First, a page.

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III. FUNGI AS PARASITES                                                     TOP

A. Beneficial Fungal Parasites

2. Prevention of Herbivory


2. Prevention of Herbivory:

Herbivorous animals are those that eat plants. Many plants have evolved mechanisms for preventing herbivory. Some have thorns, glandular hairs, odors, and an array of mechanisms. Some have taken on fungal partners that will grow within (fungal endophytes) and without causing damage. The fungus in turn will make varmints sick because of the metabolites they secrete. On the one hand, fungal endophytes are beneficial because they protect the plant; while on the other hand, they are detrimental because they cause problems for us and our domesticated animals when we eat such plants. In this chapter we will look at the beneficial ones, the ones that prevent herbivory, and in a later chapter we will focus on the detrimental ones that cause ergotism in man and animals.

Many grasses are infected with systemic fungi belonging to the Clavicipitales. A common endophyte on grasses is Epichloe, or what we commonly call the choke disease (Fig. 12-1)

Fig. 12-1. Epichloe typhina infecting a grass stem.

It does not cause disease at all, but instead is useful in enhancing growth of the grass. Balansia (Fig. 12-2) differs from Epichloe in having a flattened stromatic growth, and Atkinsonella that gets into the seed heads and also forms large pustules on the stems (Fig. 12-3)

Fig. 12-2. Grass blades infected with Balansia clavula.


Fig. 12-3. Atkinsonella hypoxylon on a grass stem.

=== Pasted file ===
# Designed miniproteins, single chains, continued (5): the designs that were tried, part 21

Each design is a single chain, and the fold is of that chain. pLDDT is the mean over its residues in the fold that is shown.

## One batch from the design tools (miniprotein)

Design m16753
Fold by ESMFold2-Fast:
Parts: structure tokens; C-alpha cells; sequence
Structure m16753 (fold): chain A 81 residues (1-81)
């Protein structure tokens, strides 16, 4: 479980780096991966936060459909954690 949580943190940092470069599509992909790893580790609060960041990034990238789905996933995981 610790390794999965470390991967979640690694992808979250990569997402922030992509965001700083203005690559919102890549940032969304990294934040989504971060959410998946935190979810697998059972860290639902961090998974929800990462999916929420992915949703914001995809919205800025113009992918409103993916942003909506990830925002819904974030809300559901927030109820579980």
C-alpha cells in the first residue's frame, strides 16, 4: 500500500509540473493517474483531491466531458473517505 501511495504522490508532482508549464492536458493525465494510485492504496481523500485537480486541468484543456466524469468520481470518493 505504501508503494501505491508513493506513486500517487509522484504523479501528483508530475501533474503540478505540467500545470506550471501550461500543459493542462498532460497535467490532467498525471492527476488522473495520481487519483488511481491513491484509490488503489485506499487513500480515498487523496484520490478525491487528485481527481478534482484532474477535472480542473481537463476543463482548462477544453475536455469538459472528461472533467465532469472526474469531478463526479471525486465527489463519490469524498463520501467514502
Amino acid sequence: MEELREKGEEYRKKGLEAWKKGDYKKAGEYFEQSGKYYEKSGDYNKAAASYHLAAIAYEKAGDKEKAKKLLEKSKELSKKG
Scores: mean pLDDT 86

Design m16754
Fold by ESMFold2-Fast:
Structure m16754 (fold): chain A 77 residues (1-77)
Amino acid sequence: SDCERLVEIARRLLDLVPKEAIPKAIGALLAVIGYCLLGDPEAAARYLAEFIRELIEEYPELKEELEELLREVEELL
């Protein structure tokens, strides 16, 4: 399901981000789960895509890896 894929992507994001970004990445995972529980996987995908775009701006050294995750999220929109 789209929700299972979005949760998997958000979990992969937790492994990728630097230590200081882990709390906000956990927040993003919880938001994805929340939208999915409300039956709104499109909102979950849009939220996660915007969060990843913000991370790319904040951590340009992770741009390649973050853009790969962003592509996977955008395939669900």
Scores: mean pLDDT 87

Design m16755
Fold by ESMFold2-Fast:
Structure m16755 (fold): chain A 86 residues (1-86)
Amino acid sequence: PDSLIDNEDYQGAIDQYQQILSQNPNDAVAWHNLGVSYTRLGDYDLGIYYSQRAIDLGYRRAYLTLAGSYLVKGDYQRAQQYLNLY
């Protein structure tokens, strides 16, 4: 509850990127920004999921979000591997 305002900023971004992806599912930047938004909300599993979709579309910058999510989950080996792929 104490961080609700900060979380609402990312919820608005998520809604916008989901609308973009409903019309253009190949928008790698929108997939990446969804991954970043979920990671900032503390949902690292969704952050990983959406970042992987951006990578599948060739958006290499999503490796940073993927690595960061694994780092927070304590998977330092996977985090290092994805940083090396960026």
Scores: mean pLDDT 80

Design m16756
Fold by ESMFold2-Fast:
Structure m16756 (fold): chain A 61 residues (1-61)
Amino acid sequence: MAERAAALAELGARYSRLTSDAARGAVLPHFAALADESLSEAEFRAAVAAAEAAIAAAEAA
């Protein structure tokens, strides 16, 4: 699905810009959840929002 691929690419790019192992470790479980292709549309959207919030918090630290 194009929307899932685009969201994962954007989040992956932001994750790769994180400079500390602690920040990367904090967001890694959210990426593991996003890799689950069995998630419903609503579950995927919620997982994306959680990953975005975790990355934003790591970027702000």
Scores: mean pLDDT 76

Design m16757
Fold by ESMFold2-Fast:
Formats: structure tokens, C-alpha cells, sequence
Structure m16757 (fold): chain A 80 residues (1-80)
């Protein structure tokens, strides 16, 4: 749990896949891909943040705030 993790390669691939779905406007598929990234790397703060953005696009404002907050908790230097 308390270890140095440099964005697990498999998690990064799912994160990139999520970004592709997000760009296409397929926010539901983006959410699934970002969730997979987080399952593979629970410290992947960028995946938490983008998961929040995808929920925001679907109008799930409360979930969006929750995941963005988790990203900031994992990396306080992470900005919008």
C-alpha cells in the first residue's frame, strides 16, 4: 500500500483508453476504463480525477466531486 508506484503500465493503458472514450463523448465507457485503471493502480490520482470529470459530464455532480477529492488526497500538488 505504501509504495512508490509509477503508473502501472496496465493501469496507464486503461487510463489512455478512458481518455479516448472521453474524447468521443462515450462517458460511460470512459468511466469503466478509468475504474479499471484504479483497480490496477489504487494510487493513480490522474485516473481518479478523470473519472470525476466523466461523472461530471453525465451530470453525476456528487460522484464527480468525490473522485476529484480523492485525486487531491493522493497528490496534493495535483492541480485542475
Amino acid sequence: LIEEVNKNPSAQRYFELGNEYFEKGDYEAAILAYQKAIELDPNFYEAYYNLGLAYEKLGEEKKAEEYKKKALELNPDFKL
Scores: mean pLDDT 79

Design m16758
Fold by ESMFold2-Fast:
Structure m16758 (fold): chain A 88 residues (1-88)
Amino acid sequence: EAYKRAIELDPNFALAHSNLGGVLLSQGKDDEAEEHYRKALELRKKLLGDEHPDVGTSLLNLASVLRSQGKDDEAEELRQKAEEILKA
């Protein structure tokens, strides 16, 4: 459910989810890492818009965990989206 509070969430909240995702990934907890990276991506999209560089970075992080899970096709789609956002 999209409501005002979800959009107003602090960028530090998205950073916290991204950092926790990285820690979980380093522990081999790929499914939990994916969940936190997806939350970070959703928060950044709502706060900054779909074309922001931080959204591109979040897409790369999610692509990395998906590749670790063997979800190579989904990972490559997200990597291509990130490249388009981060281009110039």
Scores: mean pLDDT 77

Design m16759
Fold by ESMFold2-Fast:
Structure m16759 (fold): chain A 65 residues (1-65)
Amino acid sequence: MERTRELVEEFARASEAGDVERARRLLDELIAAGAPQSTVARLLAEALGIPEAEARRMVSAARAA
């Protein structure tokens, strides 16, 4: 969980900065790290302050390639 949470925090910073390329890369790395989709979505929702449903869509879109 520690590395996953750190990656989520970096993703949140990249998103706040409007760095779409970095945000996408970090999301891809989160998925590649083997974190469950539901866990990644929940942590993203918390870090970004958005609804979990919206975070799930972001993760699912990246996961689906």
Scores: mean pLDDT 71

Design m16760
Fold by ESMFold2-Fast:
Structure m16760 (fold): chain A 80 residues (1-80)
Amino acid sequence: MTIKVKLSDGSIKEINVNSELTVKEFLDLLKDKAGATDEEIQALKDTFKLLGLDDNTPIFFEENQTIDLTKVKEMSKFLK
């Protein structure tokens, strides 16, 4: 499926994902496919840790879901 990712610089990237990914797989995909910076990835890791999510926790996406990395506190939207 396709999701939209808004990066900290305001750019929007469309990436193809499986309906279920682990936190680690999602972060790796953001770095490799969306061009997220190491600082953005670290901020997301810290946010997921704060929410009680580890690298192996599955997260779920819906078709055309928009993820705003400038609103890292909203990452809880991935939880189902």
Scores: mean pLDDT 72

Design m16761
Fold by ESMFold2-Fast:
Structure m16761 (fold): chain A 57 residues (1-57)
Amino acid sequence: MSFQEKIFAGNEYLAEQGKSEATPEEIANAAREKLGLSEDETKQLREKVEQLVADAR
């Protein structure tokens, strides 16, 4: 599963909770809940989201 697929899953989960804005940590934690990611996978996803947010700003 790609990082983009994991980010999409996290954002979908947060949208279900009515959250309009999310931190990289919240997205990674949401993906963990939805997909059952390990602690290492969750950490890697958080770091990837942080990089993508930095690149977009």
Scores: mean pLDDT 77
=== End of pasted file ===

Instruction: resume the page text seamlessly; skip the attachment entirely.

It is within these black stroma where the perithecia, i.e. sexual stage, develops. Some have an Acremonium conidial state. This group of fungi will be discussed later in their roles as the cause of plant diseases and ergotism in man and other animals.  Infection makes grasses toxic to mammals and increases resistance to insect herbivory and grain consumption. Some grasses are sterilized by endophyte infection while remaining vegetatively vigorous; other infected grasses remain completely fertile. Experiments demonstrate that plant growth and seed production can be increased by infection (Clay, 1988. Ecology 69:10-16). Thin sections of infected grasses, when stained with a fungal stain, reveals how the fungus ramifies through the tissues (Fig. 12-4) and can be grown in culture when the proper medium is used. 

Fig. 12-4. Endophytic mycelium within the tissue of a grass blade.

The greatest detriment of these fungi is in causing abortion in cattle that graze on infected grasses. Abortion levels are directly proportional to the levels of endophyte infections. Animals may also develop diarrhea and become lethargic. Endophytes can also influence seed germination.  In order to repel insects that damage grasses, farmers may purchase endophyte preparations to inoculate rye plants before planting.

Carroll (1988. Ecology 69:10-16) has demonstrated that fungal endophytes are found consistently in the leaves of conifers and a few woody broadleaf trees. These endophytes, like those on grasses, are suspected of preventing herbivory by insects and small mammals. Species of Cryptocline, Rhabdocline, Phaeocryptopus, Phyllosticta, and Nodulosporium are commonly found on Douglas Fir in the Pacific Northwest.